The Politics is one of the most influential texts in the history of political thought, and it raises issues which still confront anyone who wants to think seriously about the ways in which human societies are organized and governed. The work of one of the world's greatest philosophers, it draws on Aristotle's own great knowledge of the political and constitutional affairs of the Greek cities. By examining the way societies are run - from households to city states - Aristotle establishes how successful constitutions can best be initiated and upheld. For this edition Sir Ernest Barker's fine translation, which has been widely used for nearly half a century, has been extensively revised to meet the needs of the modern reader. The accessible introduction and clear notes by R F Stalley examine the historical and philosophical background of the work and discuss its significance for modern political thought. ABOUT THE SERIES: For over 100 years Oxford World's Classics has made available the widest range of literature from around the globe. Each affordable volume reflects Oxford's commitment to scholarship, providing the most accurate text plus a wealth of other valuable features, including expert introductions by leading authorities, helpful notes to clarify the text, up-to-date bibliographies for further study, and much more.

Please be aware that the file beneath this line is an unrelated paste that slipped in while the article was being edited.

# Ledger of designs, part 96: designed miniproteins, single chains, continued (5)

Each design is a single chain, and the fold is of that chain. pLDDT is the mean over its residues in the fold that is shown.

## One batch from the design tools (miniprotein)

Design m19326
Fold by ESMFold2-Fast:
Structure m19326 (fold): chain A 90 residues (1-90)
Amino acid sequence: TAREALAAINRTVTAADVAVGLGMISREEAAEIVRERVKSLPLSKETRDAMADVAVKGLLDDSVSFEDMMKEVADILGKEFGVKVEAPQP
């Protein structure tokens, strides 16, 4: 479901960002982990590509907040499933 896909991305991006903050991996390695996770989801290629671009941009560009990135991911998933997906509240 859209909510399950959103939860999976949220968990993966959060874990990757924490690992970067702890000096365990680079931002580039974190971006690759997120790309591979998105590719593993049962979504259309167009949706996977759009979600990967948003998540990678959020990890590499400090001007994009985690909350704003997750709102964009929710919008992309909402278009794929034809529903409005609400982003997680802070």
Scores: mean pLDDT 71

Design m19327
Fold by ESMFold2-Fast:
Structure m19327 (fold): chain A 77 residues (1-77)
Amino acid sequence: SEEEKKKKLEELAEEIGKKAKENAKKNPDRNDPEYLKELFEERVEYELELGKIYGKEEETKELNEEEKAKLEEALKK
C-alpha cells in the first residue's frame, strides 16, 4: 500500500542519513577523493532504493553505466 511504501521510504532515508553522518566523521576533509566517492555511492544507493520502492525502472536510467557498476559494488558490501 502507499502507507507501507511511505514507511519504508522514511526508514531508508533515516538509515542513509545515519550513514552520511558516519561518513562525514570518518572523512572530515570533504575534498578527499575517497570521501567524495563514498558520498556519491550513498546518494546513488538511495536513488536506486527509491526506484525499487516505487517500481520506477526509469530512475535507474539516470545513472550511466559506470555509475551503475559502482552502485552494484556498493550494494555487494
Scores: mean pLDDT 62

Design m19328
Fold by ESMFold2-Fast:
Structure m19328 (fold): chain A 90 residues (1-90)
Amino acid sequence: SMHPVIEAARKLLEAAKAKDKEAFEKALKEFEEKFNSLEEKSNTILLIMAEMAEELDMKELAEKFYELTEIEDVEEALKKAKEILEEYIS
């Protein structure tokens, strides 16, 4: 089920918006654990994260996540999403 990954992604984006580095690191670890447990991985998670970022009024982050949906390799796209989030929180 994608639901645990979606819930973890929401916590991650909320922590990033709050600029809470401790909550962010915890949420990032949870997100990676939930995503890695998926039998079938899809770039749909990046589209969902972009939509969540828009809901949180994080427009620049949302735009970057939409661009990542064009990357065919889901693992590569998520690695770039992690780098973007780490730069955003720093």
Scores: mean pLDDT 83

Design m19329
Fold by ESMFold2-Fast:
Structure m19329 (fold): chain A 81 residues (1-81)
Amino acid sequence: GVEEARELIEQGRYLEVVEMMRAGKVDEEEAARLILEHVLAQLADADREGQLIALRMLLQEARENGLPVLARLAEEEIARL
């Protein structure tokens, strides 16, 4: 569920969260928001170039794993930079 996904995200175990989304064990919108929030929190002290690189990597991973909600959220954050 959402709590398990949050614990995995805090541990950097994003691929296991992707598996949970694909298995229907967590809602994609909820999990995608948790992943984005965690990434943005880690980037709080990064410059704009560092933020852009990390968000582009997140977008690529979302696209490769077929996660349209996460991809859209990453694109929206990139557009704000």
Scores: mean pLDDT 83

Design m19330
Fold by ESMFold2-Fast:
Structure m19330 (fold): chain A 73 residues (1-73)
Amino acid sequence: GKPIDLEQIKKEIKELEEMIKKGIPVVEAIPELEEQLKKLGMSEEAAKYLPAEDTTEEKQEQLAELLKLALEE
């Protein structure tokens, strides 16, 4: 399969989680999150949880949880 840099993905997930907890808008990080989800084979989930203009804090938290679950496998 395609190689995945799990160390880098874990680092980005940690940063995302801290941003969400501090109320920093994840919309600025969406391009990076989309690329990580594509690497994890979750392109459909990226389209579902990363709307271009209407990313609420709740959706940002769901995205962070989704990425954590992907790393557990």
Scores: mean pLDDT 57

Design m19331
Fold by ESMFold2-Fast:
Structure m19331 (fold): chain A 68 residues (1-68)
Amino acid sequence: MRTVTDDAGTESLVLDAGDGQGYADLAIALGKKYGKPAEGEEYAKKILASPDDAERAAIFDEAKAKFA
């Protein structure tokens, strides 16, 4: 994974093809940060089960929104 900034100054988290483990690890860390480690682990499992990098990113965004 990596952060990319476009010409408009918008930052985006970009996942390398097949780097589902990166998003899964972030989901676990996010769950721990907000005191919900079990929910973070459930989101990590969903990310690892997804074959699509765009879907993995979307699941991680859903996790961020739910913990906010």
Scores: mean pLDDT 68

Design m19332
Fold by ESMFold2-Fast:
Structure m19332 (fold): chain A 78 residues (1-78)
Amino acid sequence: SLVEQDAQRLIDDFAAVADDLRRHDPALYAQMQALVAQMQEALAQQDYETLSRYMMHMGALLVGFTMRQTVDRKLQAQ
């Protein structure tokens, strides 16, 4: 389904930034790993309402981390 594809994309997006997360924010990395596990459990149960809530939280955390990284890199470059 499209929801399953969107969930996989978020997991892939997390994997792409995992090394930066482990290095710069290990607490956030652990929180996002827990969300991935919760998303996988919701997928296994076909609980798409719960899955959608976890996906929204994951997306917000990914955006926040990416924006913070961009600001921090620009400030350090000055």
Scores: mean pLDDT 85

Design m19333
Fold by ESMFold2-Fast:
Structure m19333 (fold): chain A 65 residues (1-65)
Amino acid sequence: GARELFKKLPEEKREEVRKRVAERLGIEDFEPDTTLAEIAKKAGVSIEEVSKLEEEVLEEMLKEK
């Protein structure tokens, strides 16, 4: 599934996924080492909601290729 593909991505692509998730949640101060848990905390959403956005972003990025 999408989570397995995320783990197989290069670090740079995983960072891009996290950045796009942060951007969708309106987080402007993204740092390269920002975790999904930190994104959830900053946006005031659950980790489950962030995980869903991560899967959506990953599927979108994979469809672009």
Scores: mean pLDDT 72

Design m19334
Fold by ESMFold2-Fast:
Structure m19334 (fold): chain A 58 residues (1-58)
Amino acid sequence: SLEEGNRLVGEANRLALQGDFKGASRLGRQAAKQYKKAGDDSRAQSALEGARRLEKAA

What people are saying - Write a review
We haven't found any reviews in the usual places.
Other editions - View all
already animals appointment argue argument aristocracy Aristotle Aristotle’s art of acquisition association Athens best constitution Book Carthage causes CHAPTER character Charondas civic body clear Cleisthenes common meals concerned consider Constitution of Athens constitutional government Crete Cypselus deliberative demagogues democracy democracy and oligarchy democratic discussion election elements Ephors equal Ethics eudaimonia example excellence exercise exist follows form of constitution function Greek happiness honour household ideal individual inﬂuence justice kind king kingship legislator leisure live matters means method military modes monarch nature Nicomachean Ethics oligarchy oligarchy and democracy Peisistratus Periander Phrygian mode Plato polis political poor population possible practice produce property qualification question reason regard Republic rich rule rulers sense share slavery slaves Socrates sort soul sovereign Spartan statesman subjects superior territory things Thrasybulus type of constitution tyranny tyrant virtue wealth whole women